With respect to Defendant's argument that it is entitled to absolute immunity based upon its regulatory enactments, that application too must be denied. Defendant relies primarily on a case involving a State agency's promulgation and lack of implementation of a safety regulation involving helmets for harness racing drivers (Dunckley v State of New York, 136 Misc 2d 767). But Dunckley involves "the exercise of the State's sovereign powers [in which] [b]y statute, only the defendants may regulate the activity of harness racing, and no private person is given this authority. (See, Racing, Pari-Mutuel Wagering and Breeding Law § 101.)" (id, at 771). The Defendant is not entitled here to absolute immunity for its regulatory enactments.

When bicycles are permitted on a roadway, their use is subject to Vehicle and Traffic Law article 34. Of particular application here is Vehicle and Traffic Law §1231 (L. 1959, c.775) which subjects all persons riding bicycles upon a roadway to all the rights and duties applicable to the driver of a vehicle[4], and §1234 (a) which notes:

(a) Upon all roadways, any bicycle ... shall be driven either on a usable bicycle ... lane or, if a usable bicycle ... lane has not been provided, near the right-hand curb or edge of the roadway or upon a usable right-hand shoulder in such a manner as to prevent undue interference with the flow of traffic except when preparing for a left turn or when reasonably necessary to avoid conditions that would make it unsafe to continue along near the right-hand curb or edge. (Emphases supplied).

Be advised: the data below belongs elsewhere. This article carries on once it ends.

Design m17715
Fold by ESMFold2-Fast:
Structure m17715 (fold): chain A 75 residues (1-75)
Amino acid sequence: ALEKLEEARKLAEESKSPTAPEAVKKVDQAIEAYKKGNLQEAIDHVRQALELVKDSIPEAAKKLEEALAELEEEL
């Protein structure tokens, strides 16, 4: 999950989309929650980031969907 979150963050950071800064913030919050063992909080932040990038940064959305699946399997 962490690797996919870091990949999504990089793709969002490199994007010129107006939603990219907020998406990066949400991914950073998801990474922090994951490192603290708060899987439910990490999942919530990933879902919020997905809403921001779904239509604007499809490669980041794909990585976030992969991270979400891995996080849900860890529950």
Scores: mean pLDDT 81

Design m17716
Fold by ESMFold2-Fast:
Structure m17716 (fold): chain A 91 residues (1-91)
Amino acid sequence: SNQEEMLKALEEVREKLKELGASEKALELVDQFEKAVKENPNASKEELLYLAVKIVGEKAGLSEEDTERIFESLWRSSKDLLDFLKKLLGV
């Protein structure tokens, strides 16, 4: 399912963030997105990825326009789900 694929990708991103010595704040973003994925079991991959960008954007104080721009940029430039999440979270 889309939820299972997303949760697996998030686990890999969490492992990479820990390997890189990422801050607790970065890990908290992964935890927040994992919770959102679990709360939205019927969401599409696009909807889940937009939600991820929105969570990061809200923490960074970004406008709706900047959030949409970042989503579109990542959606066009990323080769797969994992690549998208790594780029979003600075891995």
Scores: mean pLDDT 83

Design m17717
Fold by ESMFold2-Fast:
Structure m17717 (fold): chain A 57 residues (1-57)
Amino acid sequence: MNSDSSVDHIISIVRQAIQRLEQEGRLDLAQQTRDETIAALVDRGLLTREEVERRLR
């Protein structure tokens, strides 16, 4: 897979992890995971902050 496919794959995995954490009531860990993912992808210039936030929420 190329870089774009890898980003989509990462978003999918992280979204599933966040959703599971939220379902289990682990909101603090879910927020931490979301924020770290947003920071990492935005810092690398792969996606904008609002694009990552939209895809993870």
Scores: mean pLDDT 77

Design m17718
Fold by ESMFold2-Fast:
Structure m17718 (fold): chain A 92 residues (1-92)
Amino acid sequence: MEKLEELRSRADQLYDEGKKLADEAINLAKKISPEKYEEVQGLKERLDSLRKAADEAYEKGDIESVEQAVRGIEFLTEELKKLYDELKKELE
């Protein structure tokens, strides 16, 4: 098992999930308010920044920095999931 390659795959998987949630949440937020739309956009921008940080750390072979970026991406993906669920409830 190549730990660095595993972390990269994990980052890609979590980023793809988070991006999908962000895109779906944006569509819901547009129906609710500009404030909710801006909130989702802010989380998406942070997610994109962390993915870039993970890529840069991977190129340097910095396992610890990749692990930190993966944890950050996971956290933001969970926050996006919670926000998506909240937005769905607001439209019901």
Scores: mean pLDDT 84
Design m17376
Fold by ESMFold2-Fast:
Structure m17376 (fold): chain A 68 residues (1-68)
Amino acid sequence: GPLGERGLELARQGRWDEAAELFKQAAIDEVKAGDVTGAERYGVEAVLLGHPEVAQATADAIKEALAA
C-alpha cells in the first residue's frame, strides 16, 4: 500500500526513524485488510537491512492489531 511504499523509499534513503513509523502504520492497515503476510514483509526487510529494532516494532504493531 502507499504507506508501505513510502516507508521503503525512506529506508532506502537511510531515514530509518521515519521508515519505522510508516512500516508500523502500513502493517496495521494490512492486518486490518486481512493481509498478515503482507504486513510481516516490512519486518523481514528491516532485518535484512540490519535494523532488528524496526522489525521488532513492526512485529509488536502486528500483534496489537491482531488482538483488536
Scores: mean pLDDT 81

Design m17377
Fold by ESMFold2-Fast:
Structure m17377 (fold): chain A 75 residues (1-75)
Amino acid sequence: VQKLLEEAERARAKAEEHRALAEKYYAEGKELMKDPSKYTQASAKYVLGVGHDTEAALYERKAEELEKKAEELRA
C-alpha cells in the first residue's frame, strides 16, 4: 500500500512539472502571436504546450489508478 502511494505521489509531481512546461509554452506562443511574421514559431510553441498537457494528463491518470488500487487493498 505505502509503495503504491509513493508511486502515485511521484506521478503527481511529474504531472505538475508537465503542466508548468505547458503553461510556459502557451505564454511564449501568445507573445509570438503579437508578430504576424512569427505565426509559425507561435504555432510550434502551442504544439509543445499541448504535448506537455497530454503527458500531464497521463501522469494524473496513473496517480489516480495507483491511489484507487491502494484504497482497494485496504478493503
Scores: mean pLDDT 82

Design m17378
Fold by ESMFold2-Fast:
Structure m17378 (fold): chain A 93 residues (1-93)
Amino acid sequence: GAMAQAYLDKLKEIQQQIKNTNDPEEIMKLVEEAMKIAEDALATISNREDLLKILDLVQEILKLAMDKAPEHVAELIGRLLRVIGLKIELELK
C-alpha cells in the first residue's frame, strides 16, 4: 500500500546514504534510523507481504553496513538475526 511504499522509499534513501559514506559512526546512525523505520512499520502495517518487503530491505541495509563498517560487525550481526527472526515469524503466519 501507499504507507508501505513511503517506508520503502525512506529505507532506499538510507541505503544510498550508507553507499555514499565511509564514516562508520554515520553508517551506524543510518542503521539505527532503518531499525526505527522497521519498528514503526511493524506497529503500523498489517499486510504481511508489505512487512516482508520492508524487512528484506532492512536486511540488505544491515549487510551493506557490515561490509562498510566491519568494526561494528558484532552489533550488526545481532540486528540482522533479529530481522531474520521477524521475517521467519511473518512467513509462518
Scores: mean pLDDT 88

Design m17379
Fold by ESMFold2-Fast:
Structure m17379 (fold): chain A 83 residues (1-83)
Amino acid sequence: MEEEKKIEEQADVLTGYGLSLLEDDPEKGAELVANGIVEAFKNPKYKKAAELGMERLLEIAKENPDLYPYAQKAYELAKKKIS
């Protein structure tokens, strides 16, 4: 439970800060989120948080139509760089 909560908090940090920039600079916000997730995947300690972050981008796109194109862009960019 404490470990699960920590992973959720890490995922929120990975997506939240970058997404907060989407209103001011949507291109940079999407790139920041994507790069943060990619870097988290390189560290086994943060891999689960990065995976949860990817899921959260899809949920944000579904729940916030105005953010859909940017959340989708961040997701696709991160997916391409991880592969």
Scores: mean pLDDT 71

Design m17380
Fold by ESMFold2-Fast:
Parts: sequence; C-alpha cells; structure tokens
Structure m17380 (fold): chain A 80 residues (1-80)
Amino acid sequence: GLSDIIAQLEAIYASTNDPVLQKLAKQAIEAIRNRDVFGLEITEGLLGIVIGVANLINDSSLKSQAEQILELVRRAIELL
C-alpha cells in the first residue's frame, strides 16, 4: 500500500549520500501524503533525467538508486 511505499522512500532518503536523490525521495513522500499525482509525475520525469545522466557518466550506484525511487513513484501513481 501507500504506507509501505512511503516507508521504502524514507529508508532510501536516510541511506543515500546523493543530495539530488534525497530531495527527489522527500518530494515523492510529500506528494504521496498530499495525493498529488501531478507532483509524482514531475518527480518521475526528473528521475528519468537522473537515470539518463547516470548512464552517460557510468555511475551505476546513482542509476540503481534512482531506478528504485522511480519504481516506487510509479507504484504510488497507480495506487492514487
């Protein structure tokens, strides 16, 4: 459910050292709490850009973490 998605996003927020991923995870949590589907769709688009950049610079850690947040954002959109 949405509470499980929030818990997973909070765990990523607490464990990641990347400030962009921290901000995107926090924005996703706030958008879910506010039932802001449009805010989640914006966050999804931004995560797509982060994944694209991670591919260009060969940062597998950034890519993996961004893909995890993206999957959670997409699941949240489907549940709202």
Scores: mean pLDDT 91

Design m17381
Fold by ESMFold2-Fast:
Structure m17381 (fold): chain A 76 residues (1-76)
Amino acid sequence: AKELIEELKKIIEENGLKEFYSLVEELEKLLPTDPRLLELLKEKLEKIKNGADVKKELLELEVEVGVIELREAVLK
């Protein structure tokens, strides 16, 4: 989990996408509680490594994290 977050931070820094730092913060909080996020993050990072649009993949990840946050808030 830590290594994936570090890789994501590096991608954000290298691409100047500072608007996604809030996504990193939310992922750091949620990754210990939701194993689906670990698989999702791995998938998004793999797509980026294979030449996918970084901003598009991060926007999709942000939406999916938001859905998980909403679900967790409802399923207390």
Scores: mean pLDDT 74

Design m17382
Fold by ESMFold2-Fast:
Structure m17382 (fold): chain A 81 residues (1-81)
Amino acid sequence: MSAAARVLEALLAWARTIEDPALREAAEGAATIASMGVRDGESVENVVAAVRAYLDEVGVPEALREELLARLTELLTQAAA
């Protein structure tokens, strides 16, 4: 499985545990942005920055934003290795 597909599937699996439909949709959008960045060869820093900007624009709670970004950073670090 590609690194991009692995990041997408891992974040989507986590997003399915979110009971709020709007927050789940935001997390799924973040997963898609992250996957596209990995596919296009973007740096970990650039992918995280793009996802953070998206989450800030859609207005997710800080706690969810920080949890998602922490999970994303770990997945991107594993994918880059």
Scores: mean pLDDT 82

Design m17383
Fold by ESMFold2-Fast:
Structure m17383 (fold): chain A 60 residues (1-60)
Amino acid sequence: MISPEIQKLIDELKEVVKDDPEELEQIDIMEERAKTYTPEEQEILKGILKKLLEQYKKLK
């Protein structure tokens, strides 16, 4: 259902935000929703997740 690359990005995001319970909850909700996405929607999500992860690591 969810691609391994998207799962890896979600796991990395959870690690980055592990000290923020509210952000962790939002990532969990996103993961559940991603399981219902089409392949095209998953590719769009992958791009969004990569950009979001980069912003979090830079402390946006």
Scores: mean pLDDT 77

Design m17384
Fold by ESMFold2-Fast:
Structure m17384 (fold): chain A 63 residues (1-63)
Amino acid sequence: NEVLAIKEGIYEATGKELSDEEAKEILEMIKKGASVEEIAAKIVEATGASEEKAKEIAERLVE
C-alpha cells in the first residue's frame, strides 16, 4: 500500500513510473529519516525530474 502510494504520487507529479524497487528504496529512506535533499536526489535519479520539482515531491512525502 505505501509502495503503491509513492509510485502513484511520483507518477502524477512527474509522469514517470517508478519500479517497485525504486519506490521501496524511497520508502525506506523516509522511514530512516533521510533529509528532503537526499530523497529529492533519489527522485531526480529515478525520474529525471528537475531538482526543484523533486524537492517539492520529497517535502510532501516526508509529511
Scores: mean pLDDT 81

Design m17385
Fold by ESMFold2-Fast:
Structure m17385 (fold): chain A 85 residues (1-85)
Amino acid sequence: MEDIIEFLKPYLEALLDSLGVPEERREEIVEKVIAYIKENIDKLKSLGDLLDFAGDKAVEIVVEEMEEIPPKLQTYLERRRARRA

Article 34 therefore governs the bicyclist, not the Defendant. It directs bicyclists to bicycle lanes or paths, if they exist and if they are usable, but if not, then bicyclists are directed to drive near the right-hand curb, right edge of the roadway (presumably something akin to the fog line upon which the decedent was riding when he was struck), or the right-hand shoulder. This statute does not impose any duty or responsibility on the part of the Defendant, and if a bicyclist has a right to ride on the parkway, relying upon article 34 to infer a duty to provide a bicycle lane or path would require me to engage in judicial legislating, an invitation I would decline to accept.

Liability here is predicated upon the decision to amend Title Nine of NYCRR §391.5, repealing the prohibition of bicycles from the parkway pavement, effective May 1, 1980. It appears that bicyclists had been prohibited from using the Lake Ontario State Parkway since the adoption of regulations by the Genesee State Park and Recreation Commission, Part 391.5 (see Defendant's Exhibit B). The Claimant finds fault with the repeal thereof, and the steps taken by the Defendant in conjunction with the repeal of the prohibition.

The purported authority for the enactment of the bicycle prohibition appears to come from

Vehicle and Traffic Law §1630, and Parks, Recreation and Historic Preservation Law §7.11 (2), which authorizes each regional commission to "[a]dopt policies, rules and regulations applicable to its park region subject to the general policies formulated by the commissioner." Although it appears that the parkway was "owned by State Parks," it was constructed by DOT (see Claimant's Exhibit 6, pp 13-14). It appears that in 1975, there was a transfer of parkway maintenance from the Office of Parks and Recreation to DOT (Claimant's Exhibit 14).